photo by Jerry Baldock
photo by Jerry Baldock

"Train like you fight; fight like you train" is an axiom from the military to the martial arts community to the fire service. The more realistically you train, the better you will perform when it's all on the line. Sisters-area firefighters got two days of invaluable experience fighting fire during a "burn to learn" exercise over the weekend.

The exercise - which consumed two houses located at the corner of Jefferson Avenue and Larch Street - involved firefighters from Sisters-Camp Sherman Rural Fire Protection District, Black Butte Ranch, and Cloverdale Fire District. It simulated a "room and contents" fire.

Developer Paul Holstege approached the Sisters fire district with the opportunity.

"We knew we had to demo

them and somebody said, 'why don't you talk to the fire district about doing a burn,'" he said. From his perspective, the idea was appealing because, "the bottom line is there's less stuff to haul off."

Incident Commander Tim Craig, deputy chief in Sisters, said that the district jumped at the opportunity, which doesn't come around all that often. Craig believes that such exercises are superior to training in a simulator or steel container mock-up.

"There are other ways," he said. "But this is the best way in my opinion, because we're putting fire in an actual house." With simulators, "you don't get the same type of hose movement and that sort of thing..."

The training is valuable for veterans and greenhorns alike.

"We don't get a lot of working structure fires, so some of our volunteers could go years without seeing an active fire," Craig said. "So getting them exposed to this on a regular basis is really important."

Sisters Fire Chief Roger Johnson concurred on the superiority of training in a real house versus a purpose-built training facility.

"The fire's trying to get into the attic and we're trying to keep it out of the attic, so there's a lot of realistic (elements) you don't get in a built environment," he said.

Multiple teams of firefighters were run through multiple "sets" before the fire was allowed to consume each building - one on Saturday and one on Sunday.

Trainees confirmed the value of the realistic training.

Volunteer Sisters firefighter Mike Terwilliger - a physical therapist by trade - was on his first operation. He rotated through different positions on the hose, from the nozzle to second and third in line, where he could see flames roll over his head.

Working the nozzle was "difficult because it's such a small space and so much pressure coming out of the hose. You have to be careful."

He said that conditions were "warmer than expected; smokier than expected. The videos just don't do it justice."

He also noted that using the breathing apparatus is very different when you're in the thick of a firefight than when you're in a calm practice environment.

Ben Duda has fought wildfire with the Oregon Department of Forestry for a couple of decades. He started volunteering with the local fire department, and this was his first structure-fire training.

"I've always had a lot of respect for these guys (structure firefighters)," he said. "And over the last few months, it's tripled."

Fighting fire in a dark, smoky structure is very different from wildland firefighting, which is, as Duda noted, "100 percent ventilated." Heat builds up quickly in a confined space.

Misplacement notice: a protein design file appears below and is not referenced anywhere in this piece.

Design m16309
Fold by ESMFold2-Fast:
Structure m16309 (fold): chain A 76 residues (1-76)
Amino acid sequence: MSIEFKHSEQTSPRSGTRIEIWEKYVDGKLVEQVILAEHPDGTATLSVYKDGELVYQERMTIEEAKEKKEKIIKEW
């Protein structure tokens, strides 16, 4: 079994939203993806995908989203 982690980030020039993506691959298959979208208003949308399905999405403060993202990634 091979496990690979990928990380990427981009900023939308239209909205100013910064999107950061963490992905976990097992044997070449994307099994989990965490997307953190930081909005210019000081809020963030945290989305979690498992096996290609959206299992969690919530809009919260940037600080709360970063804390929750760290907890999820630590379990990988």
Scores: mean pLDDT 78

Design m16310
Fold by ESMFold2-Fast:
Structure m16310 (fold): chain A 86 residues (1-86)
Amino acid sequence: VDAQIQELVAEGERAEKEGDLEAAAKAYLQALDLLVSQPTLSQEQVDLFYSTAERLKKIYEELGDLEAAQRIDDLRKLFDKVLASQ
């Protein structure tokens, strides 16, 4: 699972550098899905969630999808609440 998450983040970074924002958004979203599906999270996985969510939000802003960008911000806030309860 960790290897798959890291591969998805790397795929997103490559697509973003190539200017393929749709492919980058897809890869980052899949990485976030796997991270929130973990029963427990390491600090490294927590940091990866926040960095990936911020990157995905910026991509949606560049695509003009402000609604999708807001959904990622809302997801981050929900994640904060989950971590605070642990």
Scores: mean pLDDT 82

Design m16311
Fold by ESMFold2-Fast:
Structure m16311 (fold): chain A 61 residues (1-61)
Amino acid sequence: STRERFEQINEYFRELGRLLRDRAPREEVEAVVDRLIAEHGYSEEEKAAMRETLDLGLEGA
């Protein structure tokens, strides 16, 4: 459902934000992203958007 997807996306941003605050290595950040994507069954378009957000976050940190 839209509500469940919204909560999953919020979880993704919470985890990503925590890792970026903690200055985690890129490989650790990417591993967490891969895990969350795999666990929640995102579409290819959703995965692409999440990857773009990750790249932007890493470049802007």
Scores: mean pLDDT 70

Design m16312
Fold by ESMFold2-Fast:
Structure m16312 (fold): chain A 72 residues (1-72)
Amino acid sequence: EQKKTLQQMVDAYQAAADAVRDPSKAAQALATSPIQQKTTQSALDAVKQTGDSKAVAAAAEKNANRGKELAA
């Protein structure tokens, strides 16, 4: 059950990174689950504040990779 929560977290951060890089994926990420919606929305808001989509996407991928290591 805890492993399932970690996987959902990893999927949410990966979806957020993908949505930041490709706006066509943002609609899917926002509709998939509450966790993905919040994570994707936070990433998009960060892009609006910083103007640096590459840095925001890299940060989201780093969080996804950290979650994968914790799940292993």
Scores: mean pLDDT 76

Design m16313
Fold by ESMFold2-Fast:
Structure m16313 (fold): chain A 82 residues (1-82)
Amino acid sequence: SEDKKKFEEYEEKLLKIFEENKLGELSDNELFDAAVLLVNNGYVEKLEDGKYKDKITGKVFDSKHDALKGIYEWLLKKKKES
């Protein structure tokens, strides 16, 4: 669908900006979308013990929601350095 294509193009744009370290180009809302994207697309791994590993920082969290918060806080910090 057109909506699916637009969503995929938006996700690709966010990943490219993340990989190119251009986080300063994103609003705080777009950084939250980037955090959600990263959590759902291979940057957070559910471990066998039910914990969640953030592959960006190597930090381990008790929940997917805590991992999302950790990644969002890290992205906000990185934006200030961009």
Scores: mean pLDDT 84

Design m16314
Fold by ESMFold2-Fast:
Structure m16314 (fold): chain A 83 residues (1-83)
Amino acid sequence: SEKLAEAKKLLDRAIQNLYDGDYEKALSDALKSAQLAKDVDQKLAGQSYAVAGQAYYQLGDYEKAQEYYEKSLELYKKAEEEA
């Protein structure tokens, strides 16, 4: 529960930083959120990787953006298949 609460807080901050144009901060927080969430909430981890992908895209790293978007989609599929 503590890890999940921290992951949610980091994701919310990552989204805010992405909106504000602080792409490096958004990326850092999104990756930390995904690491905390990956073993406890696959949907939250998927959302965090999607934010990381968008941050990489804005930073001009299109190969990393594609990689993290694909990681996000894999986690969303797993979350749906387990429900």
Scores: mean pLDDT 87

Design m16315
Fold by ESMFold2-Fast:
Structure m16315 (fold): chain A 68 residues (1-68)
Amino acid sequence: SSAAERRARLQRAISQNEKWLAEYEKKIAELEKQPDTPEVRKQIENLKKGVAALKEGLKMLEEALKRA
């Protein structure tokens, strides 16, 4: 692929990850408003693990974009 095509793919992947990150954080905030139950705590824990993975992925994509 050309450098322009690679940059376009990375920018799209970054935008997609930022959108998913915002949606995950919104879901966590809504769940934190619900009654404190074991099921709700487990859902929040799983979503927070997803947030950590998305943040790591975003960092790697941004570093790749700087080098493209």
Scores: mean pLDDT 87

"We're on our hands and knees; we're shoulder-to-shoulder with the partner you've been training with," he said.

He noted that there are bits and pieces of the training that he will take back to his wildland firefighting crews, who often have to interface with structure protection crews on wildfires that threaten communities.

Duda was impressed with the level of coordination and communication among and within each of the departments involved in the exercise - coordination that is crucial when confronting the real thing.

"Knowing all the pieces are in place (is) amazing," Duda said. "It makes the undoable doable, it seems like."

The pieces are not just the men and women on the hose. There are lots of supervisory eyes on the exercise making sure that everyone is accounted for and that safety protocols are being observed. And the comfort of the firefighters is also taken into account. The all-day exercise was supported by volunteers from the Sisters Fire Corps, who provided lunches, water and other support.

"They're just incredibly dedicated community members," Craig said. "Without them, this would be a much more difficult operation."

Safety of firefighters and the community is the paramount concern in planning such an operation. Weeks of planning and preparation went into the exercise. Chief Johnson noted that there is an extensive procedure involved in making sure hazardous materials are out of the building and to get it cleared to burn. Careful planning and organization ensures that the training environment stays safe, even though it involves fire, smoke and a structure that is being deliberately weakened.

"There's zero tolerance for death and injury in training," Deputy Chief Craig emphasized. "Zero tolerance. And there's a high risk of injury and death any time you're dealing with fire, so it's very stressful."

That said, though, it was clear on the scene that firefighters from students to veterans were having a great time honing their skills in an environment that is as close to the real thing as they can safely get.